Late Bloomers: A Shift in Perspective on a Drizzly Evening

On a trip to the see the sunflowers at Dorothea Dix Park, this writer learns she’s missed the peak — but finds something just as beautiful.
by Jordan Lee | photography by Bob Karp

I turned into the nearly-empty gravel lot that late-July evening with the sinking feeling you get when you arrive at a restaurant that closed 10 minutes earlier. As I got out of my car, the sky started spitting and I popped open my umbrella. I walked, lost in thought, looking at my feet on the patchy grass, trodden by thousands before me.

Suddenly, I was there. I looked up across the field to see… green. Stalks and stalks of green. Noooooooo! I thought. I should have made it out last week. At the edge of the sunflower field at Dorothea Dix Park, I was deflated that I’d missed the scene bursting with sunflowers that had been filling my Instagram feed.

But then I glanced over my shoulder. Behind me, like a silent flash mob just waiting for their cue, were rows of happy yellow faces. The stalks I’d seen before were simply their backs.

I walked down one row, bright sunflower faces cresting my shoulders. The canopy of my umbrella, paired with the walls of sunflowers, insulated me from all the exterior noise. All I could hear was the static of the rain and the water falling through the leaves all around me. I walked through row after row, intoxicated by the repetition.

The rainy field yielded to patches of color. That glow of youth was evident in a just few late bloomers, heads held high, standing above the crowd.

But most of the sunflowers were well past peak. I paused to look at some mammoth blossoms: The leaves were wrinkly and brown, parched from the summer heat, their stalks prickly with 5 o’clock shadows. Their heads bowed down, chin-to-chest, gazing at their roots. But I saw sprouts of black seeds on their faces. Raindrops had collected in the depressions of their necks — quick pit stops for the bees. They had transformed to provide new life.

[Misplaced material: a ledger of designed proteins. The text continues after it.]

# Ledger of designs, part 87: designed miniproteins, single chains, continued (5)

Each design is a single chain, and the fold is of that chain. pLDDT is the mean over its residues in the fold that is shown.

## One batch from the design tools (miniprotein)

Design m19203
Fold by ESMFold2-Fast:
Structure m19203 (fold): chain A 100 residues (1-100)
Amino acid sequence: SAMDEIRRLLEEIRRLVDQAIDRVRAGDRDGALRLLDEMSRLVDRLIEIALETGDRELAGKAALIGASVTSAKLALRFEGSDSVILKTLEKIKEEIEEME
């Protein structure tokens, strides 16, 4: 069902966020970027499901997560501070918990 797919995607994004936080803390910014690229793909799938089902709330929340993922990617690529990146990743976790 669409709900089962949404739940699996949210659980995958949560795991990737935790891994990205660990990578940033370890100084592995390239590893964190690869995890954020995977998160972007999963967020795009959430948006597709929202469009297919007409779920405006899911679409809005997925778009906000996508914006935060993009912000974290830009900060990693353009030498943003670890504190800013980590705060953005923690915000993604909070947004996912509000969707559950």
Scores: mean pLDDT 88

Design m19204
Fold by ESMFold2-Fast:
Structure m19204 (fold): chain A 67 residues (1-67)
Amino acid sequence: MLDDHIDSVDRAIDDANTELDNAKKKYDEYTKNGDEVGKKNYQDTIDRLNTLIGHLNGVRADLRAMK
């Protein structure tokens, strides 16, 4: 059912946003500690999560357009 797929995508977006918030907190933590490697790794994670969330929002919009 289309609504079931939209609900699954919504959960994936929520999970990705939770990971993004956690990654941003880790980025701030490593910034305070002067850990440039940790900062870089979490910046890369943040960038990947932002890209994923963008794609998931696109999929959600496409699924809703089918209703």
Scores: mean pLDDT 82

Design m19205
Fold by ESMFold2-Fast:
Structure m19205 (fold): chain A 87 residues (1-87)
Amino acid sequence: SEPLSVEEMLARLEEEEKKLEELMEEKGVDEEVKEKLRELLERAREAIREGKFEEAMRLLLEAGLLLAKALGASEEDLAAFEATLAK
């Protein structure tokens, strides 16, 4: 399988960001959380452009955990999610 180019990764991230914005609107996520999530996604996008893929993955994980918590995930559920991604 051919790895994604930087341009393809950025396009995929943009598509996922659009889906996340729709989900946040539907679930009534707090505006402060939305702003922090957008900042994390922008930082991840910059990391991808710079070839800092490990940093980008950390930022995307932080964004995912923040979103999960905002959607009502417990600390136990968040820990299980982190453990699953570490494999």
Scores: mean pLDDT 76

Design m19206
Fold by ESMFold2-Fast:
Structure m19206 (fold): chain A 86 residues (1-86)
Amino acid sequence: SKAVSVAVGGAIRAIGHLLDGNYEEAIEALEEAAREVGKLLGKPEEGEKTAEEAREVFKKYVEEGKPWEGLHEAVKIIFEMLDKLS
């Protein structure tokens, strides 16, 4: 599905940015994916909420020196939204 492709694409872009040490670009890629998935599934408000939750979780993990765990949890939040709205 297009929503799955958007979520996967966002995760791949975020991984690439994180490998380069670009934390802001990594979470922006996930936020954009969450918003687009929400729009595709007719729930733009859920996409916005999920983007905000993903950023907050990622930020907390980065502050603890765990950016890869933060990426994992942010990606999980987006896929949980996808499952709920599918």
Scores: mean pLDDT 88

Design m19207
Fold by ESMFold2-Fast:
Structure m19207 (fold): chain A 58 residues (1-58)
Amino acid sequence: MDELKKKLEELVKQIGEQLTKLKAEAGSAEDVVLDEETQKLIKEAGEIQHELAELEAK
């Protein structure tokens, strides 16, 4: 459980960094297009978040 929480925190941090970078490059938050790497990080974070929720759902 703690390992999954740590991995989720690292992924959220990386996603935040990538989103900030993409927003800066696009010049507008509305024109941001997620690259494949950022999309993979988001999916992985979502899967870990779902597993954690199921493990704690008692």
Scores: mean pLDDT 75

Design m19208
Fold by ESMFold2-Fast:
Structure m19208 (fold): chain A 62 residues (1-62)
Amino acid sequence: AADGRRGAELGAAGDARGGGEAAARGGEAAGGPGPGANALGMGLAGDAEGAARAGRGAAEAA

The sky was starting to dim, and the rain was falling harder, so I moseyed back to my car. The droplets had quieted the dusty paths and washed the world clean. There was a brightness that was different from when I arrived. Maybe it was the rain’s work; maybe it was me.

Had I turned around instead of moving forward, had it been beaming sunshine instead of raining, I might have missed this. But the slate gray sky curtsied, and the sunflowers stepped to center stage — bright and warm.

It was a reminder that it’s all about perspectives in life. Vantage points. What you see from where you see it.

Sunflowers are blooming at Dorothea Dix Park ushering in the return of a beloved Raleigh event that was put on hold for a year due to the COVID-19 pandemic. After the bloom is over, Raleigh Water harvests the sunflowers at Dix Park to process biodiesel for educational programs and demonstrations. Over 8 acres of sunflower are planted across Dorothea Dix Park and the North Carolina Museum of Art.

This article originally appeared in the July 2022 issue of WALTER magazine.